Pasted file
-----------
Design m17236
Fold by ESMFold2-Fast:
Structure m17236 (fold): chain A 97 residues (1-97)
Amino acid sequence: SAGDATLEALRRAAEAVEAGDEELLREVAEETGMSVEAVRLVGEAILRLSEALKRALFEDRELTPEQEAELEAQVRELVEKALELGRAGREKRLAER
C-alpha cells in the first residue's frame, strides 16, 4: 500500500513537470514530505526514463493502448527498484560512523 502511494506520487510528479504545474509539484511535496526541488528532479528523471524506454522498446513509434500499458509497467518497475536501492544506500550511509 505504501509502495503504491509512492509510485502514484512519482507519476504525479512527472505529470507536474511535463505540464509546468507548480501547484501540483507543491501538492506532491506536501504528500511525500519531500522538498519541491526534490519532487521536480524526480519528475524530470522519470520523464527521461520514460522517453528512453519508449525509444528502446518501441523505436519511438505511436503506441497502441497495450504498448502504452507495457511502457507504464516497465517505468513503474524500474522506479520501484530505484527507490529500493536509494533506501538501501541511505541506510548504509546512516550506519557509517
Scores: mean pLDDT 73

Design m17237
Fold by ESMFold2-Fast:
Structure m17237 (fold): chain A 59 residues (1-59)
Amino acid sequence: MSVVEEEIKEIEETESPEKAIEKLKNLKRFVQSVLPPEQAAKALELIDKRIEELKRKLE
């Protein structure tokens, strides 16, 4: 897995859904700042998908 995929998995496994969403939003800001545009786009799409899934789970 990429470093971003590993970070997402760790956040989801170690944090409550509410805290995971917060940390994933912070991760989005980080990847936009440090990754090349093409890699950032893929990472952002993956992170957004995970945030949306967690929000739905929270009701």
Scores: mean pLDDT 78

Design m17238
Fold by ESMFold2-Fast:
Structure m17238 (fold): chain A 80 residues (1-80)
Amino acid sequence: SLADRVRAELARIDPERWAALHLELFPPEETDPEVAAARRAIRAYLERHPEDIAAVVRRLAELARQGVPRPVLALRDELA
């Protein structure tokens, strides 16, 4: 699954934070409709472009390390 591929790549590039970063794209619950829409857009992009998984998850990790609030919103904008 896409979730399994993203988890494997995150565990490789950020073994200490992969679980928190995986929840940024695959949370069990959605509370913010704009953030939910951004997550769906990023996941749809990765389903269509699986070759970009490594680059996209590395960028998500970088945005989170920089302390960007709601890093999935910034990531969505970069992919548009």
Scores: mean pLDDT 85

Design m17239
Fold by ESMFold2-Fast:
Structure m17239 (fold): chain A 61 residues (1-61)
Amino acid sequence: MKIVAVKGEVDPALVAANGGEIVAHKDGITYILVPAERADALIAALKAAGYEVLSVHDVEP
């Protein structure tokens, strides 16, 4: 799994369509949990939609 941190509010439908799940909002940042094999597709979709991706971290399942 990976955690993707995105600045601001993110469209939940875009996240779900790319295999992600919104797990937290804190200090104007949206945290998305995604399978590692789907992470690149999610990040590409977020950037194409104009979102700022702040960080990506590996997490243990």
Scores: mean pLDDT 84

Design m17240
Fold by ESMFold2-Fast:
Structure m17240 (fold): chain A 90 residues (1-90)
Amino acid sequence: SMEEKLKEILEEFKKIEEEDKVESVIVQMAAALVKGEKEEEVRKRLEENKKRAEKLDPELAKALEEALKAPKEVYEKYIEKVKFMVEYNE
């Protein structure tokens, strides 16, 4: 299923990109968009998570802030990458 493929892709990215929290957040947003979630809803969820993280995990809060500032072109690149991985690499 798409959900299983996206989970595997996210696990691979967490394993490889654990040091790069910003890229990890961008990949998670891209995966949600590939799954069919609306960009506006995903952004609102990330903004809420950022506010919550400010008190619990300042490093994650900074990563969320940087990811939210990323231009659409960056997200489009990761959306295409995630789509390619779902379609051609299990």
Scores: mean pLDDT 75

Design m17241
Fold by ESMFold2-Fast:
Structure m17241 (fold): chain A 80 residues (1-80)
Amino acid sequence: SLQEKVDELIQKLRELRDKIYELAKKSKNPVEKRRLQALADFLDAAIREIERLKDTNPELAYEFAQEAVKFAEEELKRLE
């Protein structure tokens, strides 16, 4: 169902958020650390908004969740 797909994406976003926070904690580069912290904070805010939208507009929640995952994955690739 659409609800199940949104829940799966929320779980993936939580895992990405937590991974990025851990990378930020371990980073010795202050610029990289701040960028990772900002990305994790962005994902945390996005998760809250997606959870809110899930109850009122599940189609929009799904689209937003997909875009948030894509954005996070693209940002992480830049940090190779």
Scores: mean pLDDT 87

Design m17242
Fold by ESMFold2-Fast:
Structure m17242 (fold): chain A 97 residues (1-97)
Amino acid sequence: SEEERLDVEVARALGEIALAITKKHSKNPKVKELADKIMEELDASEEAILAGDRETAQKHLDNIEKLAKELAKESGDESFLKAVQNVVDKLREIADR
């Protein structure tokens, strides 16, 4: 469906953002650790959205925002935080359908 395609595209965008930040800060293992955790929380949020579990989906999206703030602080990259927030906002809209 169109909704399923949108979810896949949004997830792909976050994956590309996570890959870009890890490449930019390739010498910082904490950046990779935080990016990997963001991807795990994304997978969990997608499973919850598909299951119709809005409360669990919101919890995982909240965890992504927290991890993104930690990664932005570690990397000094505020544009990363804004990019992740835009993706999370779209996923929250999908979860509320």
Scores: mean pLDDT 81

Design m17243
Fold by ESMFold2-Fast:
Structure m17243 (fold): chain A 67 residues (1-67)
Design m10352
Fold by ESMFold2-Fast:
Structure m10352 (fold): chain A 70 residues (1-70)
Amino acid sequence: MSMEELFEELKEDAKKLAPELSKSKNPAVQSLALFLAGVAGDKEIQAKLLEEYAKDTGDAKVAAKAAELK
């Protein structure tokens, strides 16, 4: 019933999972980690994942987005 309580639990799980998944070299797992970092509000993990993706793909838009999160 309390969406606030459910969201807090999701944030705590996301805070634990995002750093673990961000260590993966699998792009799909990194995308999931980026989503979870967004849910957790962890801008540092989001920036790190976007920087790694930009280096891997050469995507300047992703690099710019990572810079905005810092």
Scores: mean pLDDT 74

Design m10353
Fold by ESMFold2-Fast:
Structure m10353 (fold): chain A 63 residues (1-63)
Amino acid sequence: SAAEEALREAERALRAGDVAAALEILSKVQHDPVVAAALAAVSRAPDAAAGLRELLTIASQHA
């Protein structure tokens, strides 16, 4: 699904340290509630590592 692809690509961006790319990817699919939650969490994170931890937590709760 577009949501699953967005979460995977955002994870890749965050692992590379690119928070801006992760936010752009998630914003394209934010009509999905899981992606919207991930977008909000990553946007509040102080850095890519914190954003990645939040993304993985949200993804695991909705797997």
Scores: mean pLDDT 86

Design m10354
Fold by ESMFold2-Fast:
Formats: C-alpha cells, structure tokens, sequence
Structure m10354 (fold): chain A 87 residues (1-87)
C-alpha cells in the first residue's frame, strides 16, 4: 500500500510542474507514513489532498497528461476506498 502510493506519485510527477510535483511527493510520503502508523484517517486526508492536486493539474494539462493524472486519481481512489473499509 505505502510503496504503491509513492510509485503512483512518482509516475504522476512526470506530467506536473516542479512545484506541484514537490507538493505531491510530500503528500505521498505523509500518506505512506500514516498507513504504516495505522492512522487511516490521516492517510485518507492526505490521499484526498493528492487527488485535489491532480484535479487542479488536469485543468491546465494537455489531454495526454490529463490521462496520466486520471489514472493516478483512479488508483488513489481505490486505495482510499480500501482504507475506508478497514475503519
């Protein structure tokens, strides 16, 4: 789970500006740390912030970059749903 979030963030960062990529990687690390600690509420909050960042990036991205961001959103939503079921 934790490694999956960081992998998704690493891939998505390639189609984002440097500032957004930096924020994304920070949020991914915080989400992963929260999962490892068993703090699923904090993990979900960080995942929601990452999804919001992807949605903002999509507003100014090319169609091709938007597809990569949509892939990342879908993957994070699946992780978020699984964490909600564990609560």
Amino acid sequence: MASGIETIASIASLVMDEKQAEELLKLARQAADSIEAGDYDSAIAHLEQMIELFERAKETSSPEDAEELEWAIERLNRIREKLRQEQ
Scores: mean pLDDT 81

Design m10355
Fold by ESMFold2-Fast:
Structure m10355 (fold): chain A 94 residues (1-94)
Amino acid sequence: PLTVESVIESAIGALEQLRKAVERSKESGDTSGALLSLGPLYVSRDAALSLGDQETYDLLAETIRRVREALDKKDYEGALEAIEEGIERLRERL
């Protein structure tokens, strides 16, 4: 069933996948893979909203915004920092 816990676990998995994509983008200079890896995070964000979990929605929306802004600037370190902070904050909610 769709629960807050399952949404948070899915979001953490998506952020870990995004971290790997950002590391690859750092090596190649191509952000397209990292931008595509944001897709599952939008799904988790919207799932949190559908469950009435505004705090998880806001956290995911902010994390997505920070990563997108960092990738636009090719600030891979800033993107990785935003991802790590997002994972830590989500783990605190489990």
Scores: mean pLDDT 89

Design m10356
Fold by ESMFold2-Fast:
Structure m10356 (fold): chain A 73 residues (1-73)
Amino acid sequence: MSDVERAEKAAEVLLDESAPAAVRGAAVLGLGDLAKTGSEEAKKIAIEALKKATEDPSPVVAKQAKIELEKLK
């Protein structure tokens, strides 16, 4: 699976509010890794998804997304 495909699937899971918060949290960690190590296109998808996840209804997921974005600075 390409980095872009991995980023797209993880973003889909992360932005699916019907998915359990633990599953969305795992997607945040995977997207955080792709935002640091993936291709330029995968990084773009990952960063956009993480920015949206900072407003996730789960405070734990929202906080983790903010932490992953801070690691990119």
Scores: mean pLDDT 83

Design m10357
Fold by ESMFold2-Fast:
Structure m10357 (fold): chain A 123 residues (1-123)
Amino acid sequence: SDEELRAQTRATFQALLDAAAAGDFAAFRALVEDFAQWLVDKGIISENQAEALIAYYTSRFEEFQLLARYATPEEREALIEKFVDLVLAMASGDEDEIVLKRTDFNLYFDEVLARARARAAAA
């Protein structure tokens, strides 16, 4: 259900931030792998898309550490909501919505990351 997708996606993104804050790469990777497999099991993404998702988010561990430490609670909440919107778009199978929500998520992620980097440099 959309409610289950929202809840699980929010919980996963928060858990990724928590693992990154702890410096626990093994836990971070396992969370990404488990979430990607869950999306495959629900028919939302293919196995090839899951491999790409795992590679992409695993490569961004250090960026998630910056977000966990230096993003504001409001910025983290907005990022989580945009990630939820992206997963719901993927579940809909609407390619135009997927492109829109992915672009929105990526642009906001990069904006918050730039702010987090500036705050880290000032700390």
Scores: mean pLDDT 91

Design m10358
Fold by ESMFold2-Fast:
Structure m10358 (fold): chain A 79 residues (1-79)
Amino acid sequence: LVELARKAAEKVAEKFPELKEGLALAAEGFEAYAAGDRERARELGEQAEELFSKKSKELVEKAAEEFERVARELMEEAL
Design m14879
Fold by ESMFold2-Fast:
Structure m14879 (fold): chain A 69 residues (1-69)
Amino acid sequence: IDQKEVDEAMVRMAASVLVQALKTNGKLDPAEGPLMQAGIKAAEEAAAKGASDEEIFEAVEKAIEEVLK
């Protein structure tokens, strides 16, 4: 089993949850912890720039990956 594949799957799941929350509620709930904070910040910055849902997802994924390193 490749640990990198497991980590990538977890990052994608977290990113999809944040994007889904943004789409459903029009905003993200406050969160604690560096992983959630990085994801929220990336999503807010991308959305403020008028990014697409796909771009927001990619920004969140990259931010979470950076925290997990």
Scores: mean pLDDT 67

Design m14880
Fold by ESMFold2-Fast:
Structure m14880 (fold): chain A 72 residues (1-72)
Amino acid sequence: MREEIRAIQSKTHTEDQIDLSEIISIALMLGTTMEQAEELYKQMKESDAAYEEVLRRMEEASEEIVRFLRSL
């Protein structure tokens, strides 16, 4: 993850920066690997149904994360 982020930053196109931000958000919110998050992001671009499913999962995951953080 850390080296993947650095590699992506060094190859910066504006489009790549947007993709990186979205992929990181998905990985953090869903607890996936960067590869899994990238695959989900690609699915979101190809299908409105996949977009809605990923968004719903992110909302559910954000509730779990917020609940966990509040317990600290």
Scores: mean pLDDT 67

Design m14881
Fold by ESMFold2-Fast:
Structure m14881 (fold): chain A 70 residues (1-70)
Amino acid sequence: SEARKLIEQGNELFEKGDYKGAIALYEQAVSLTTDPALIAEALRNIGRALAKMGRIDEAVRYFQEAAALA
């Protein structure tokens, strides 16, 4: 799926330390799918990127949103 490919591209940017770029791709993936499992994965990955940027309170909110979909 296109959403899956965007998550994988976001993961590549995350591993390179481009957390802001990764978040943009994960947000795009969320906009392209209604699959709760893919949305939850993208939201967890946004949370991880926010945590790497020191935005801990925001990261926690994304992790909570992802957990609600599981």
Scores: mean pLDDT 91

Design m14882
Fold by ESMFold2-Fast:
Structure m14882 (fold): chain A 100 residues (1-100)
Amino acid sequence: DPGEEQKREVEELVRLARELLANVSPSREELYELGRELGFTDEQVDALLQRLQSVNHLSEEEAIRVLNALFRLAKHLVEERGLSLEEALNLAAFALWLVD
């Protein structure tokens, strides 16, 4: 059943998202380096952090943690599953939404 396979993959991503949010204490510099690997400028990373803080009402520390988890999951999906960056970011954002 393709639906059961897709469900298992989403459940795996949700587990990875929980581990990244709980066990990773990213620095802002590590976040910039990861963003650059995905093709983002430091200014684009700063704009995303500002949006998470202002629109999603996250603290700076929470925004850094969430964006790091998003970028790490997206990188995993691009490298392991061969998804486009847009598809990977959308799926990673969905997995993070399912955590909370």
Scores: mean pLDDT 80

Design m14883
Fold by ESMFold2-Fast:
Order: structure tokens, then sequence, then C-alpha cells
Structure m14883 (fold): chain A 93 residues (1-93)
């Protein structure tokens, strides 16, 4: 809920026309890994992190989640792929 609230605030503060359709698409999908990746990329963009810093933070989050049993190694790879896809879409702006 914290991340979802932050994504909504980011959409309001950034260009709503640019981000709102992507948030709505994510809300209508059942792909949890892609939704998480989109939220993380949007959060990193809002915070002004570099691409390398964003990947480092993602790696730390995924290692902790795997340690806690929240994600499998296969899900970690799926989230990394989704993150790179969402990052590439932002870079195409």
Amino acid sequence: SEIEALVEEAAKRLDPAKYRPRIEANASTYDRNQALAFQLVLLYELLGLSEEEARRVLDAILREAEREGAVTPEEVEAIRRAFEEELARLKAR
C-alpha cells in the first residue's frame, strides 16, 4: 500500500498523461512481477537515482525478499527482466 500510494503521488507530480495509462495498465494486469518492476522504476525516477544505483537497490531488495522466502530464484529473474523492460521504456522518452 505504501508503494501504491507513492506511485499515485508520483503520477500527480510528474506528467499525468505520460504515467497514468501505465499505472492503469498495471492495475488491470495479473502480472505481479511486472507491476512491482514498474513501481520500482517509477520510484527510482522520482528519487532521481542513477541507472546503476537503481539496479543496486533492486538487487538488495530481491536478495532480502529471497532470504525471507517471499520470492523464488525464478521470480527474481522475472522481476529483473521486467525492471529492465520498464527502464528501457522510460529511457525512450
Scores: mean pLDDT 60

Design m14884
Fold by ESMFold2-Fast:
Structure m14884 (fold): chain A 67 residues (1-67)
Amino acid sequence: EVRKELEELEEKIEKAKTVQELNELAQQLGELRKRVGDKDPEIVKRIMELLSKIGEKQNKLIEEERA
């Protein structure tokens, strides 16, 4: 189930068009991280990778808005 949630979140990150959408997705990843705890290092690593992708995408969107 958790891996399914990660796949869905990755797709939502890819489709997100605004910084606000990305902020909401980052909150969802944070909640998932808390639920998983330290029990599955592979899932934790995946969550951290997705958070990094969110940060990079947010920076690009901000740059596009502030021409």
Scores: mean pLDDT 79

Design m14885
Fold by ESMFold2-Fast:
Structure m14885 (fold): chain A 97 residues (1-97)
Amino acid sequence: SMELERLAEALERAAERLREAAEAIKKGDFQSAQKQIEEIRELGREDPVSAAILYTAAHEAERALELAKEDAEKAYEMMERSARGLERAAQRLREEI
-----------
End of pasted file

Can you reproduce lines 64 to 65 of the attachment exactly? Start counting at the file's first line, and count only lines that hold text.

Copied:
Amino acid sequence: MASGIETIASIASLVMDEKQAEELLKLARQAADSIEAGDYDSAIAHLEQMIELFERAKETSSPEDAEELEWAIERLNRIREKLRQEQ
Scores: mean pLDDT 81